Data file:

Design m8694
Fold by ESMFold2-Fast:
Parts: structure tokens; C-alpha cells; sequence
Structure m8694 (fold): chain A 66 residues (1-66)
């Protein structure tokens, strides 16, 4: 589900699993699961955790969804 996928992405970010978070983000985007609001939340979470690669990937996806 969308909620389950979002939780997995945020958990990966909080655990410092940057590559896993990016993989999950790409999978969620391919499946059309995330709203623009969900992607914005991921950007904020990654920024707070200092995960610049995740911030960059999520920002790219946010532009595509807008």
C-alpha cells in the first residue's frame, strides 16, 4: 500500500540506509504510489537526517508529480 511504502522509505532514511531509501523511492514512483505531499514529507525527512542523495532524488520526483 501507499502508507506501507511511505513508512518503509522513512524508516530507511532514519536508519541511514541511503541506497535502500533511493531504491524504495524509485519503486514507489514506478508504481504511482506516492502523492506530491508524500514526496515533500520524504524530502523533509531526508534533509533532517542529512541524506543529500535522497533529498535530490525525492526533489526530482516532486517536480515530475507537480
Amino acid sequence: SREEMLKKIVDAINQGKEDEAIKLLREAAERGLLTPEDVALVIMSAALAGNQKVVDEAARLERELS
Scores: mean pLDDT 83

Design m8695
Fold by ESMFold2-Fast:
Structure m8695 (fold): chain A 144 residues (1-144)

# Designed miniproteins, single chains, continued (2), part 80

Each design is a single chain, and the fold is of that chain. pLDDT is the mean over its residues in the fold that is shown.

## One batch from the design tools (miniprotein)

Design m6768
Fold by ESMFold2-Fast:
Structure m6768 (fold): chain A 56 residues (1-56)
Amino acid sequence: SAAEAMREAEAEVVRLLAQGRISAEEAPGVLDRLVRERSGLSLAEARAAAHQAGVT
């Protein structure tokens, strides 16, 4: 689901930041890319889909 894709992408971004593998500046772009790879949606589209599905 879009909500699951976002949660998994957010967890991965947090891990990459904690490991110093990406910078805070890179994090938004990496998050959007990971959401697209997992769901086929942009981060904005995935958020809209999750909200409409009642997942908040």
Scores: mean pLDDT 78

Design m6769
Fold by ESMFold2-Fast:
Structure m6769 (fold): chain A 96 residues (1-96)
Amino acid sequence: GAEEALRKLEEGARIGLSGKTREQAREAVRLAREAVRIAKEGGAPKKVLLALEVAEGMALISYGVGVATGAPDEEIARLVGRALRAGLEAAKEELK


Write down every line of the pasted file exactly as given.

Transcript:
Design m8694
Fold by ESMFold2-Fast:
Parts: structure tokens; C-alpha cells; sequence
Structure m8694 (fold): chain A 66 residues (1-66)
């Protein structure tokens, strides 16, 4: 589900699993699961955790969804 996928992405970010978070983000985007609001939340979470690669990937996806 969308909620389950979002939780997995945020958990990966909080655990410092940057590559896993990016993989999950790409999978969620391919499946059309995330709203623009969900992607914005991921950007904020990654920024707070200092995960610049995740911030960059999520920002790219946010532009595509807008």
C-alpha cells in the first residue's frame, strides 16, 4: 500500500540506509504510489537526517508529480 511504502522509505532514511531509501523511492514512483505531499514529507525527512542523495532524488520526483 501507499502508507506501507511511505513508512518503509522513512524508516530507511532514519536508519541511514541511503541506497535502500533511493531504491524504495524509485519503486514507489514506478508504481504511482506516492502523492506530491508524500514526496515533500520524504524530502523533509531526508534533509533532517542529512541524506543529500535522497533529498535530490525525492526533489526530482516532486517536480515530475507537480
Amino acid sequence: SREEMLKKIVDAINQGKEDEAIKLLREAAERGLLTPEDVALVIMSAALAGNQKVVDEAARLERELS
Scores: mean pLDDT 83

Design m8695
Fold by ESMFold2-Fast:
Structure m8695 (fold): chain A 144 residues (1-144)

# Designed miniproteins, single chains, continued (2), part 80

Each design is a single chain, and the fold is of that chain. pLDDT is the mean over its residues in the fold that is shown.

## One batch from the design tools (miniprotein)

Design m6768
Fold by ESMFold2-Fast:
Structure m6768 (fold): chain A 56 residues (1-56)
Amino acid sequence: SAAEAMREAEAEVVRLLAQGRISAEEAPGVLDRLVRERSGLSLAEARAAAHQAGVT
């Protein structure tokens, strides 16, 4: 689901930041890319889909 894709992408971004593998500046772009790879949606589209599905 879009909500699951976002949660998994957010967890991965947090891990990459904690490991110093990406910078805070890179994090938004990496998050959007990971959401697209997992769901086929942009981060904005995935958020809209999750909200409409009642997942908040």
Scores: mean pLDDT 78

Design m6769
Fold by ESMFold2-Fast:
Structure m6769 (fold): chain A 96 residues (1-96)
Amino acid sequence: GAEEALRKLEEGARIGLSGKTREQAREAVRLAREAVRIAKEGGAPKKVLLALEVAEGMALISYGVGVATGAPDEEIARLVGRALRAGLEAAKEELK